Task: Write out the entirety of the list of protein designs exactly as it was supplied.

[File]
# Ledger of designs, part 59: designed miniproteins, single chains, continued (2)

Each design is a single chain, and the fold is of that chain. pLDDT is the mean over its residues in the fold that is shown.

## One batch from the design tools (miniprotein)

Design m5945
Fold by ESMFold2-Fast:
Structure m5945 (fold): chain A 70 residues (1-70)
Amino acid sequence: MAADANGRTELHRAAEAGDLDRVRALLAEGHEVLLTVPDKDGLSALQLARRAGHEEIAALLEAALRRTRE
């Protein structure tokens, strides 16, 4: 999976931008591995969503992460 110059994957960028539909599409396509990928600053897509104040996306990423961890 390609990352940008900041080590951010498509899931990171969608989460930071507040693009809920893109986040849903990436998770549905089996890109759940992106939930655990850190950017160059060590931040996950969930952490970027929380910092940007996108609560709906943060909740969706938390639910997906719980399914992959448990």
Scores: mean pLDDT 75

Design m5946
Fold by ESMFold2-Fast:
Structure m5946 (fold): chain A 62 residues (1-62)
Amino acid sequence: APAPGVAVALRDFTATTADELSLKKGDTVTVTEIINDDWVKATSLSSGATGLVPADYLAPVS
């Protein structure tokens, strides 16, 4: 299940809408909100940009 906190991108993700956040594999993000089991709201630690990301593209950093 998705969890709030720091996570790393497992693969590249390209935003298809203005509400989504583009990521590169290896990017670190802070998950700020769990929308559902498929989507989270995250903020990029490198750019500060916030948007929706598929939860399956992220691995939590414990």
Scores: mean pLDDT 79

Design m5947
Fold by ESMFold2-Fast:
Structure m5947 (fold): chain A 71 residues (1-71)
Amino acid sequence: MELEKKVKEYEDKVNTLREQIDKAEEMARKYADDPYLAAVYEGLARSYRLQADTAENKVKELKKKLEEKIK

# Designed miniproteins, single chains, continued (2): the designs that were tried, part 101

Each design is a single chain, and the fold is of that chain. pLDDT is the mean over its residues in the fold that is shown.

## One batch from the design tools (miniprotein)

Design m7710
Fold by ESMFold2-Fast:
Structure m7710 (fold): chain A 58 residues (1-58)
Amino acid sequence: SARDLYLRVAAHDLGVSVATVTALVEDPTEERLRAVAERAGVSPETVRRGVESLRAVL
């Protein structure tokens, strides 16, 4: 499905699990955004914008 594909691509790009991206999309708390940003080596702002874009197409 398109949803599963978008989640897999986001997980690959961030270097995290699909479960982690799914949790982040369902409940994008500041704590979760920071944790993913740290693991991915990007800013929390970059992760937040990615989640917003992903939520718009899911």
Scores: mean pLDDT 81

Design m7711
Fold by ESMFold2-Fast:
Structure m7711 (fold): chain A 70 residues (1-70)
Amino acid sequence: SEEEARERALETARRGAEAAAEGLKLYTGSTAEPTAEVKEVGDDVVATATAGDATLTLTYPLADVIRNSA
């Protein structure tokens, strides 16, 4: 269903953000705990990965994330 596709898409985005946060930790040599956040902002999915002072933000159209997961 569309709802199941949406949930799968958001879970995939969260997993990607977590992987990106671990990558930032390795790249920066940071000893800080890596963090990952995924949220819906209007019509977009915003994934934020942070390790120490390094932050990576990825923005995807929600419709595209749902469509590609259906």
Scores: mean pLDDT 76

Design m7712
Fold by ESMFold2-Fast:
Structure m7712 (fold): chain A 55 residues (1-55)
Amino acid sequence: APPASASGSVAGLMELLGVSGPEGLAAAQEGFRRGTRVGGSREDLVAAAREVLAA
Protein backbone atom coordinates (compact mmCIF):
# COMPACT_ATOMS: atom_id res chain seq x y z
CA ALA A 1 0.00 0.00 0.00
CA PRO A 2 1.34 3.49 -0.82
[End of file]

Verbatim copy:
# Ledger of designs, part 59: designed miniproteins, single chains, continued (2)

Each design is a single chain, and the fold is of that chain. pLDDT is the mean over its residues in the fold that is shown.

## One batch from the design tools (miniprotein)

Design m5945
Fold by ESMFold2-Fast:
Structure m5945 (fold): chain A 70 residues (1-70)
Amino acid sequence: MAADANGRTELHRAAEAGDLDRVRALLAEGHEVLLTVPDKDGLSALQLARRAGHEEIAALLEAALRRTRE
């Protein structure tokens, strides 16, 4: 999976931008591995969503992460 110059994957960028539909599409396509990928600053897509104040996306990423961890 390609990352940008900041080590951010498509899931990171969608989460930071507040693009809920893109986040849903990436998770549905089996890109759940992106939930655990850190950017160059060590931040996950969930952490970027929380910092940007996108609560709906943060909740969706938390639910997906719980399914992959448990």
Scores: mean pLDDT 75

Design m5946
Fold by ESMFold2-Fast:
Structure m5946 (fold): chain A 62 residues (1-62)
Amino acid sequence: APAPGVAVALRDFTATTADELSLKKGDTVTVTEIINDDWVKATSLSSGATGLVPADYLAPVS
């Protein structure tokens, strides 16, 4: 299940809408909100940009 906190991108993700956040594999993000089991709201630690990301593209950093 998705969890709030720091996570790393497992693969590249390209935003298809203005509400989504583009990521590169290896990017670190802070998950700020769990929308559902498929989507989270995250903020990029490198750019500060916030948007929706598929939860399956992220691995939590414990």
Scores: mean pLDDT 79

Design m5947
Fold by ESMFold2-Fast:
Structure m5947 (fold): chain A 71 residues (1-71)
Amino acid sequence: MELEKKVKEYEDKVNTLREQIDKAEEMARKYADDPYLAAVYEGLARSYRLQADTAENKVKELKKKLEEKIK

# Designed miniproteins, single chains, continued (2): the designs that were tried, part 101

Each design is a single chain, and the fold is of that chain. pLDDT is the mean over its residues in the fold that is shown.

## One batch from the design tools (miniprotein)

Design m7710
Fold by ESMFold2-Fast:
Structure m7710 (fold): chain A 58 residues (1-58)
Amino acid sequence: SARDLYLRVAAHDLGVSVATVTALVEDPTEERLRAVAERAGVSPETVRRGVESLRAVL
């Protein structure tokens, strides 16, 4: 499905699990955004914008 594909691509790009991206999309708390940003080596702002874009197409 398109949803599963978008989640897999986001997980690959961030270097995290699909479960982690799914949790982040369902409940994008500041704590979760920071944790993913740290693991991915990007800013929390970059992760937040990615989640917003992903939520718009899911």
Scores: mean pLDDT 81

Design m7711
Fold by ESMFold2-Fast:
Structure m7711 (fold): chain A 70 residues (1-70)
Amino acid sequence: SEEEARERALETARRGAEAAAEGLKLYTGSTAEPTAEVKEVGDDVVATATAGDATLTLTYPLADVIRNSA
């Protein structure tokens, strides 16, 4: 269903953000705990990965994330 596709898409985005946060930790040599956040902002999915002072933000159209997961 569309709802199941949406949930799968958001879970995939969260997993990607977590992987990106671990990558930032390795790249920066940071000893800080890596963090990952995924949220819906209007019509977009915003994934934020942070390790120490390094932050990576990825923005995807929600419709595209749902469509590609259906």
Scores: mean pLDDT 76

Design m7712
Fold by ESMFold2-Fast:
Structure m7712 (fold): chain A 55 residues (1-55)
Amino acid sequence: APPASASGSVAGLMELLGVSGPEGLAAAQEGFRRGTRVGGSREDLVAAAREVLAA
Protein backbone atom coordinates (compact mmCIF):
# COMPACT_ATOMS: atom_id res chain seq x y z
CA ALA A 1 0.00 0.00 0.00
CA PRO A 2 1.34 3.49 -0.82